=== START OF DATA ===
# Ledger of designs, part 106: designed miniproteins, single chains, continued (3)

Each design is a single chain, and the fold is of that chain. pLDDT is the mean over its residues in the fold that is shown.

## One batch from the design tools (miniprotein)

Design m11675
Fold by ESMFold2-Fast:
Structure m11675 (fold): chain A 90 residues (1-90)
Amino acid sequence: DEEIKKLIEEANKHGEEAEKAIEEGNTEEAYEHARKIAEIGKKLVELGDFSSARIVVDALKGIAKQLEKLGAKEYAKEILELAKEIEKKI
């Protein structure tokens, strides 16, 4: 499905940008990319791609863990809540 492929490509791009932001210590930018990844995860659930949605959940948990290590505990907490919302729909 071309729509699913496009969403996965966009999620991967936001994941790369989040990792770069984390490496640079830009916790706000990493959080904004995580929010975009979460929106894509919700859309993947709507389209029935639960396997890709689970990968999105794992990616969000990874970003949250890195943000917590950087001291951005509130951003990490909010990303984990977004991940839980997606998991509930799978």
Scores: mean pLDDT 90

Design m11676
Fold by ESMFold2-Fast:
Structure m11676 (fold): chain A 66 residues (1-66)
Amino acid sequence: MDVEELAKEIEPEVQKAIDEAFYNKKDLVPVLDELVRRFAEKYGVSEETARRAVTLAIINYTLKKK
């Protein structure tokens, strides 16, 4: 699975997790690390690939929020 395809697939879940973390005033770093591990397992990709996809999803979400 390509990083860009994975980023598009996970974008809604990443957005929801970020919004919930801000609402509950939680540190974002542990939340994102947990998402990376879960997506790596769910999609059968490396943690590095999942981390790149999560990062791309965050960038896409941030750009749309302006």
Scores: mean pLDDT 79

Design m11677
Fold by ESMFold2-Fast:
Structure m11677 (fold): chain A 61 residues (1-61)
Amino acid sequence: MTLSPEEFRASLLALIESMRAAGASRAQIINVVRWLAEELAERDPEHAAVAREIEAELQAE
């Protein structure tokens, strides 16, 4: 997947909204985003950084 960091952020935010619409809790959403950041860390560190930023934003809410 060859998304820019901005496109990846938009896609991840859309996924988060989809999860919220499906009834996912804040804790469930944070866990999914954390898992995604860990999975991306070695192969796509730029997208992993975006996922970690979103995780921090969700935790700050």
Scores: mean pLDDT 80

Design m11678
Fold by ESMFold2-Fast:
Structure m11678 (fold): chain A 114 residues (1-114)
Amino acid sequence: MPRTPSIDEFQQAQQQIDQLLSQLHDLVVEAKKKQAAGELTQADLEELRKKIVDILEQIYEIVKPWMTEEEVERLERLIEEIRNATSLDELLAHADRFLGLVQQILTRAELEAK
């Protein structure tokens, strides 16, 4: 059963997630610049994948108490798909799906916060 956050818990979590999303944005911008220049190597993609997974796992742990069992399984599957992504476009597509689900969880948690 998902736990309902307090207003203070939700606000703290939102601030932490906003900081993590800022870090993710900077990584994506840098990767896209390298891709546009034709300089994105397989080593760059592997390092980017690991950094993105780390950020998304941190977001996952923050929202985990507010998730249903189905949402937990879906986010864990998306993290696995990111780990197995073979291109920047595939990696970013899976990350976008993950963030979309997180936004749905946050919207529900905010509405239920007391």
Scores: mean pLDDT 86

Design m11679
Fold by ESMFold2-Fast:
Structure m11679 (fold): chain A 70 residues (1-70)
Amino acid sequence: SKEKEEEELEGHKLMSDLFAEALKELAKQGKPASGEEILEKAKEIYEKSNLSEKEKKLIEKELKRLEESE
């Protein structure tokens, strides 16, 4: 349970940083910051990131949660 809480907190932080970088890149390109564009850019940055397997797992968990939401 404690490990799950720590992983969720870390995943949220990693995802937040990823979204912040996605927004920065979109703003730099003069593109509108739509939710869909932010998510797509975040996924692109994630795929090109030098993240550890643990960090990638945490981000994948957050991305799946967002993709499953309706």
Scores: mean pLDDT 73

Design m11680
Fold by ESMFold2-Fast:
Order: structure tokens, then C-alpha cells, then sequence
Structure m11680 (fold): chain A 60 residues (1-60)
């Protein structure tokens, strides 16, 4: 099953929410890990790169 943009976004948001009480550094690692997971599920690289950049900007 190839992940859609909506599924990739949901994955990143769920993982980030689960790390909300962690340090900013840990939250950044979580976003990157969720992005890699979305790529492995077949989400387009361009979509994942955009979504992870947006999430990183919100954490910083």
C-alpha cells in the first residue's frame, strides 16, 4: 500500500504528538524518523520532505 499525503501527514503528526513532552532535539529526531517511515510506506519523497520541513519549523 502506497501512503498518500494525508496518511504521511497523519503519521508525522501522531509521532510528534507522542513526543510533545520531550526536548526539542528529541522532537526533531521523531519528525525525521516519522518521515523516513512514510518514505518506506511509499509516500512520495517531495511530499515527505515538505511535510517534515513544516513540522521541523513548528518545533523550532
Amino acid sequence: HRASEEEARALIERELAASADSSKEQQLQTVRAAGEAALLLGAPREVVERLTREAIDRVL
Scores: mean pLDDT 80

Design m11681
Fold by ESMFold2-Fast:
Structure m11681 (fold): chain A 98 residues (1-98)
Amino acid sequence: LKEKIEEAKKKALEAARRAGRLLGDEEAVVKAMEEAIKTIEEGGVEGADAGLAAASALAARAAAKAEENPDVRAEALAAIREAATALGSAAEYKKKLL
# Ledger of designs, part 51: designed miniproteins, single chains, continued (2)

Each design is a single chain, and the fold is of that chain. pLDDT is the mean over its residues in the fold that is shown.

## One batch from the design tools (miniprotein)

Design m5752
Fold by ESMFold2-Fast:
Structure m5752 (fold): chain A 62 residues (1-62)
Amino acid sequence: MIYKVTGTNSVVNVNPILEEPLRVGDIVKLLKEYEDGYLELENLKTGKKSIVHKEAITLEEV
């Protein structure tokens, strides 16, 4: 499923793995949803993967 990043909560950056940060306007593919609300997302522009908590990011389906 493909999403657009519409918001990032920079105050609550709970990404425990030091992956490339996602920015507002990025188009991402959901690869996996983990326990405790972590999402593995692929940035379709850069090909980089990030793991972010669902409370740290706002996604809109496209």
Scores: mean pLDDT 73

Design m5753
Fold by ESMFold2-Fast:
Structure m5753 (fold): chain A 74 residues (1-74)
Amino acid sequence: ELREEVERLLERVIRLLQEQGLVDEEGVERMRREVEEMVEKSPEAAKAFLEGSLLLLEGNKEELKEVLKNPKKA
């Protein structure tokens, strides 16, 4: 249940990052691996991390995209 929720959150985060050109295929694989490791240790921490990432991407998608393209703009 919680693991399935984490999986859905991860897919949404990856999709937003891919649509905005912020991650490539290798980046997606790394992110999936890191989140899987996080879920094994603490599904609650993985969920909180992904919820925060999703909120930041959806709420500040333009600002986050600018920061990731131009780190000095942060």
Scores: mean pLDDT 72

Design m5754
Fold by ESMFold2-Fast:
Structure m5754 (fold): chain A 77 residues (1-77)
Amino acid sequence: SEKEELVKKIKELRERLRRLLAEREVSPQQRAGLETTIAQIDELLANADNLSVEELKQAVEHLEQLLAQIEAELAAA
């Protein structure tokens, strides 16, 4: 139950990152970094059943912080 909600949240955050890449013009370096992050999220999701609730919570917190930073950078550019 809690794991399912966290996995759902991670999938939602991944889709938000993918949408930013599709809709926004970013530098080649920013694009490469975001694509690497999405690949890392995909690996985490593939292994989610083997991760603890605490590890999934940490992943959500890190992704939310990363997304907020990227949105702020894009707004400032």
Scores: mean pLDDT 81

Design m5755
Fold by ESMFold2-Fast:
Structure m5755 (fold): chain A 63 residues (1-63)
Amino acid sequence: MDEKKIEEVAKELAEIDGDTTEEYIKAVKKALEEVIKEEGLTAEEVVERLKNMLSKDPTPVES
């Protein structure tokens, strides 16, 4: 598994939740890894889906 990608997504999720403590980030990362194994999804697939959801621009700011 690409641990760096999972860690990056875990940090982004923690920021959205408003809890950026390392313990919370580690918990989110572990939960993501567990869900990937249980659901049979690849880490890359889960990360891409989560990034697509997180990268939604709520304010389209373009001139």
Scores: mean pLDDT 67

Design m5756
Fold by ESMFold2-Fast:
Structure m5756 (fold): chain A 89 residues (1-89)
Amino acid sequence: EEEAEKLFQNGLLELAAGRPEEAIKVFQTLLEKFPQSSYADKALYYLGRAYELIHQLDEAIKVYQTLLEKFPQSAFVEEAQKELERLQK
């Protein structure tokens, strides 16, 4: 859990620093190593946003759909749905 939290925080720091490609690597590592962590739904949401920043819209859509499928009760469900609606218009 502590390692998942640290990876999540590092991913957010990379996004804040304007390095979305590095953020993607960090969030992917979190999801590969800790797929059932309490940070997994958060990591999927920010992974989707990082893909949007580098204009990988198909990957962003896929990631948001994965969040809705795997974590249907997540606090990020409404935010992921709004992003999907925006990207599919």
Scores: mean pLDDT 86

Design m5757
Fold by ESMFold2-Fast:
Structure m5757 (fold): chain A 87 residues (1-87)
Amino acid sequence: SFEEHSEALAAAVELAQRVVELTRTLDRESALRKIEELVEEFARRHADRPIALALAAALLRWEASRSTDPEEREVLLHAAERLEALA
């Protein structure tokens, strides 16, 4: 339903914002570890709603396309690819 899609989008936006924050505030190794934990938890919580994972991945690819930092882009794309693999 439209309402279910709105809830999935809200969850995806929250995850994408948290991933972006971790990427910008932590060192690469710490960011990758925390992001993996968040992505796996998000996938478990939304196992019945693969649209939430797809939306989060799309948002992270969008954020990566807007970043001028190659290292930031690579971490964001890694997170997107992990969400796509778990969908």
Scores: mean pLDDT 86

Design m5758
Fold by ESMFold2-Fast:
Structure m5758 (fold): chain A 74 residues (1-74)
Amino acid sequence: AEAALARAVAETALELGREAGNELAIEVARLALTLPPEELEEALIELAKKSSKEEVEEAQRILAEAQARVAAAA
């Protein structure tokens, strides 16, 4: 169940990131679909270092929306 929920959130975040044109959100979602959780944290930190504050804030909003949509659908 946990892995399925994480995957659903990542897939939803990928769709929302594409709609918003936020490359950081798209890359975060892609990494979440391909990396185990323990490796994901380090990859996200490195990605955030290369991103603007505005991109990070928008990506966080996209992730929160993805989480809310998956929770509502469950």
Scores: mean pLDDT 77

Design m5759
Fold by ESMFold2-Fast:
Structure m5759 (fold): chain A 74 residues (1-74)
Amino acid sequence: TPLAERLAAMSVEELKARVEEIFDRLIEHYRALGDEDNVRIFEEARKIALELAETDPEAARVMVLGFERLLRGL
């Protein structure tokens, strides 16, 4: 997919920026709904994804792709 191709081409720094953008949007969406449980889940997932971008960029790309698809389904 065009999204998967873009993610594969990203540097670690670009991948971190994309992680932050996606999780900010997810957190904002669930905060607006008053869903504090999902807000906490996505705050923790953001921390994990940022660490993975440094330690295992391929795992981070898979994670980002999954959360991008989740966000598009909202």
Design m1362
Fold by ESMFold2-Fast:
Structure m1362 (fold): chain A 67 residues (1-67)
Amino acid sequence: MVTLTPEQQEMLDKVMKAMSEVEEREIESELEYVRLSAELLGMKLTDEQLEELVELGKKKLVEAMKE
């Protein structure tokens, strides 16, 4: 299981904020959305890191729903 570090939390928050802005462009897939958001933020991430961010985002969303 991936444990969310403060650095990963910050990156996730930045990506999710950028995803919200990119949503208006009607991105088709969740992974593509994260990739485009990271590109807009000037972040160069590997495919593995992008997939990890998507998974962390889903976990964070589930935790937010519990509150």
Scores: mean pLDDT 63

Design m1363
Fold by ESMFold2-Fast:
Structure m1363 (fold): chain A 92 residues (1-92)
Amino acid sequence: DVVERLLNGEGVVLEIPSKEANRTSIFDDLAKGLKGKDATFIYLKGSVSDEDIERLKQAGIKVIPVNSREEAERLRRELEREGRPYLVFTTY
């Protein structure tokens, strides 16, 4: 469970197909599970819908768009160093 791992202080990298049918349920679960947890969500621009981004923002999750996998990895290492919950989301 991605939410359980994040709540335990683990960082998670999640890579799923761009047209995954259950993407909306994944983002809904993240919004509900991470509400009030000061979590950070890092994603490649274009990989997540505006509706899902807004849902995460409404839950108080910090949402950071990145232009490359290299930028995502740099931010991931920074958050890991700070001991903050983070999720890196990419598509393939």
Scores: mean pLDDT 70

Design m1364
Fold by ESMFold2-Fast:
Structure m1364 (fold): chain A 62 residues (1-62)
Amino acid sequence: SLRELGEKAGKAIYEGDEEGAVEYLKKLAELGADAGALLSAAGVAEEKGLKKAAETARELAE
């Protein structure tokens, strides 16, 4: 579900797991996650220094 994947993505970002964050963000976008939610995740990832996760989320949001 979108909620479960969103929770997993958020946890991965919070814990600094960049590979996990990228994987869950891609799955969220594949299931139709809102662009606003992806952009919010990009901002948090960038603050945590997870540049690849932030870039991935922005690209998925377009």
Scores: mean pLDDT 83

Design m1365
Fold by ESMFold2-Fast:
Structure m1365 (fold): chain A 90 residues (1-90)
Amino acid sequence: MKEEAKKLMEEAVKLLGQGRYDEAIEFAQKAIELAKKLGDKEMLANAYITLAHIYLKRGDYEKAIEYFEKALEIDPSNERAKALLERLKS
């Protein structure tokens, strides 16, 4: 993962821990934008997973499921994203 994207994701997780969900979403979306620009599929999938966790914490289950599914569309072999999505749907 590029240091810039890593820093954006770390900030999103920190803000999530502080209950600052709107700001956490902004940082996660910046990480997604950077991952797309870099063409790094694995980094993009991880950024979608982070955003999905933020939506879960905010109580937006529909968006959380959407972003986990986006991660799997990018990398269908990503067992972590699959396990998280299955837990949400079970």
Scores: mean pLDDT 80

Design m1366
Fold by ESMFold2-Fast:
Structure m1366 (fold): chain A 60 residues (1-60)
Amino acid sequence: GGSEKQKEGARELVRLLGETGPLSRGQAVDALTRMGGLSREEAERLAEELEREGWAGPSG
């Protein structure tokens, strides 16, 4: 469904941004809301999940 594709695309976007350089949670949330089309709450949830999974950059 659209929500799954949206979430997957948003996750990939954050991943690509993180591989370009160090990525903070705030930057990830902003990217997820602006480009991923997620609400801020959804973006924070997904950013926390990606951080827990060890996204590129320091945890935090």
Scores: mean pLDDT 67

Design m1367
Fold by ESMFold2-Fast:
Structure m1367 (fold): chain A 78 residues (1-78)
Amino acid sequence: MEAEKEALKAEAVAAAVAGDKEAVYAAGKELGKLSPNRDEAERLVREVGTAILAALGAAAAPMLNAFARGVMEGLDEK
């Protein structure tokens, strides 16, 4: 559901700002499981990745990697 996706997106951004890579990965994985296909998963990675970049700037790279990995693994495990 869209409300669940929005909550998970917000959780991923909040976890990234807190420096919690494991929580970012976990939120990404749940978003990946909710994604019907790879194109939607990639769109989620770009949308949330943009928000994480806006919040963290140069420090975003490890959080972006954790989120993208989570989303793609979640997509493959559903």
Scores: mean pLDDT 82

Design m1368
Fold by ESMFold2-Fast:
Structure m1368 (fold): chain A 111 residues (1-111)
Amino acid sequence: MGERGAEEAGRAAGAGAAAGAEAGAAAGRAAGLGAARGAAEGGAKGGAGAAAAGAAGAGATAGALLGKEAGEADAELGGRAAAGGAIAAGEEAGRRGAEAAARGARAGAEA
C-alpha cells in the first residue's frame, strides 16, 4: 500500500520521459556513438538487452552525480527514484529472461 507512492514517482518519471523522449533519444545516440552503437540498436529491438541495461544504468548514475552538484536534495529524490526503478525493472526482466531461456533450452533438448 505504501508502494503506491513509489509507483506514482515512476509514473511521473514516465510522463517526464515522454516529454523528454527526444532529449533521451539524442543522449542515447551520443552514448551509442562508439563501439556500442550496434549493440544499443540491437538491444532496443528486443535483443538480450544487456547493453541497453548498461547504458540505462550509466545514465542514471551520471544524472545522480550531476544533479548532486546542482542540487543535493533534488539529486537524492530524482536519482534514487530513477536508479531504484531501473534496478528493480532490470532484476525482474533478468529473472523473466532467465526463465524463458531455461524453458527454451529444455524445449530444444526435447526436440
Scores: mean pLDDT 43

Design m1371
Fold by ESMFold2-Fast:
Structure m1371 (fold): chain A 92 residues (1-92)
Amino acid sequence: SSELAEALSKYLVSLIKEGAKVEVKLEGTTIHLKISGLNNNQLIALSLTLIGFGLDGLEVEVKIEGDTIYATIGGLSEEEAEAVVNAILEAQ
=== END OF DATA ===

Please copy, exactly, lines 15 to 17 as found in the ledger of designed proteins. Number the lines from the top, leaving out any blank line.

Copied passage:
Scores: mean pLDDT 79

Design m11677
Fold by ESMFold2-Fast: